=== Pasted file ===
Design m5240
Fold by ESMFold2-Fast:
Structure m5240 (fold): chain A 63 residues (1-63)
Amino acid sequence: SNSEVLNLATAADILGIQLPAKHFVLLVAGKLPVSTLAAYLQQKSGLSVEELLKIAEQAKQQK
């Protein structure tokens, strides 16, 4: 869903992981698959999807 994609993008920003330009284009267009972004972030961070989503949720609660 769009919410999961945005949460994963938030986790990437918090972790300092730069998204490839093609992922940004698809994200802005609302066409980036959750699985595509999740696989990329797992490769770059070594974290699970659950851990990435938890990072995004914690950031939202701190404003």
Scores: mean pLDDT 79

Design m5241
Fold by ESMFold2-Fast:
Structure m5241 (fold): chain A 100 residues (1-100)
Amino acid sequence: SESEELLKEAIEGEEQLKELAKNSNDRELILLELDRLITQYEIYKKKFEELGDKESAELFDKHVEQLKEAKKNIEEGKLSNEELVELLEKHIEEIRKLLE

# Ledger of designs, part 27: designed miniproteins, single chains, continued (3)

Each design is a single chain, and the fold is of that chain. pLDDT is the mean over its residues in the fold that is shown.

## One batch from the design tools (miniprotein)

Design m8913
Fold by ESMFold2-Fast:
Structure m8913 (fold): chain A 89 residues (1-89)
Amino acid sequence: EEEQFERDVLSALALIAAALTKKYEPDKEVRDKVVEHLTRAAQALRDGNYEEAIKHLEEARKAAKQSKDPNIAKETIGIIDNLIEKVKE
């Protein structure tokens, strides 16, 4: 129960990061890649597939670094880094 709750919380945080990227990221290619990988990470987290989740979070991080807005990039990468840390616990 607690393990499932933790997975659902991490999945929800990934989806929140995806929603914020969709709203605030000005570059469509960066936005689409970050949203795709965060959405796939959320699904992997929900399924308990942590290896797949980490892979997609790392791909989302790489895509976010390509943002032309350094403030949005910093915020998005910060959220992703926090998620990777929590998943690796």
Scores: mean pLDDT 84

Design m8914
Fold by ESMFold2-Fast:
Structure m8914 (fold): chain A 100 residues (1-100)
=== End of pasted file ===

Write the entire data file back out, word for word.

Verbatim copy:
Design m5240
Fold by ESMFold2-Fast:
Structure m5240 (fold): chain A 63 residues (1-63)
Amino acid sequence: SNSEVLNLATAADILGIQLPAKHFVLLVAGKLPVSTLAAYLQQKSGLSVEELLKIAEQAKQQK
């Protein structure tokens, strides 16, 4: 869903992981698959999807 994609993008920003330009284009267009972004972030961070989503949720609660 769009919410999961945005949460994963938030986790990437918090972790300092730069998204490839093609992922940004698809994200802005609302066409980036959750699985595509999740696989990329797992490769770059070594974290699970659950851990990435938890990072995004914690950031939202701190404003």
Scores: mean pLDDT 79

Design m5241
Fold by ESMFold2-Fast:
Structure m5241 (fold): chain A 100 residues (1-100)
Amino acid sequence: SESEELLKEAIEGEEQLKELAKNSNDRELILLELDRLITQYEIYKKKFEELGDKESAELFDKHVEQLKEAKKNIEEGKLSNEELVELLEKHIEEIRKLLE

# Ledger of designs, part 27: designed miniproteins, single chains, continued (3)

Each design is a single chain, and the fold is of that chain. pLDDT is the mean over its residues in the fold that is shown.

## One batch from the design tools (miniprotein)

Design m8913
Fold by ESMFold2-Fast:
Structure m8913 (fold): chain A 89 residues (1-89)
Amino acid sequence: EEEQFERDVLSALALIAAALTKKYEPDKEVRDKVVEHLTRAAQALRDGNYEEAIKHLEEARKAAKQSKDPNIAKETIGIIDNLIEKVKE
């Protein structure tokens, strides 16, 4: 129960990061890649597939670094880094 709750919380945080990227990221290619990988990470987290989740979070991080807005990039990468840390616990 607690393990499932933790997975659902991490999945929800990934989806929140995806929603914020969709709203605030000005570059469509960066936005689409970050949203795709965060959405796939959320699904992997929900399924308990942590290896797949980490892979997609790392791909989302790489895509976010390509943002032309350094403030949005910093915020998005910060959220992703926090998620990777929590998943690796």
Scores: mean pLDDT 84

Design m8914
Fold by ESMFold2-Fast:
Structure m8914 (fold): chain A 100 residues (1-100)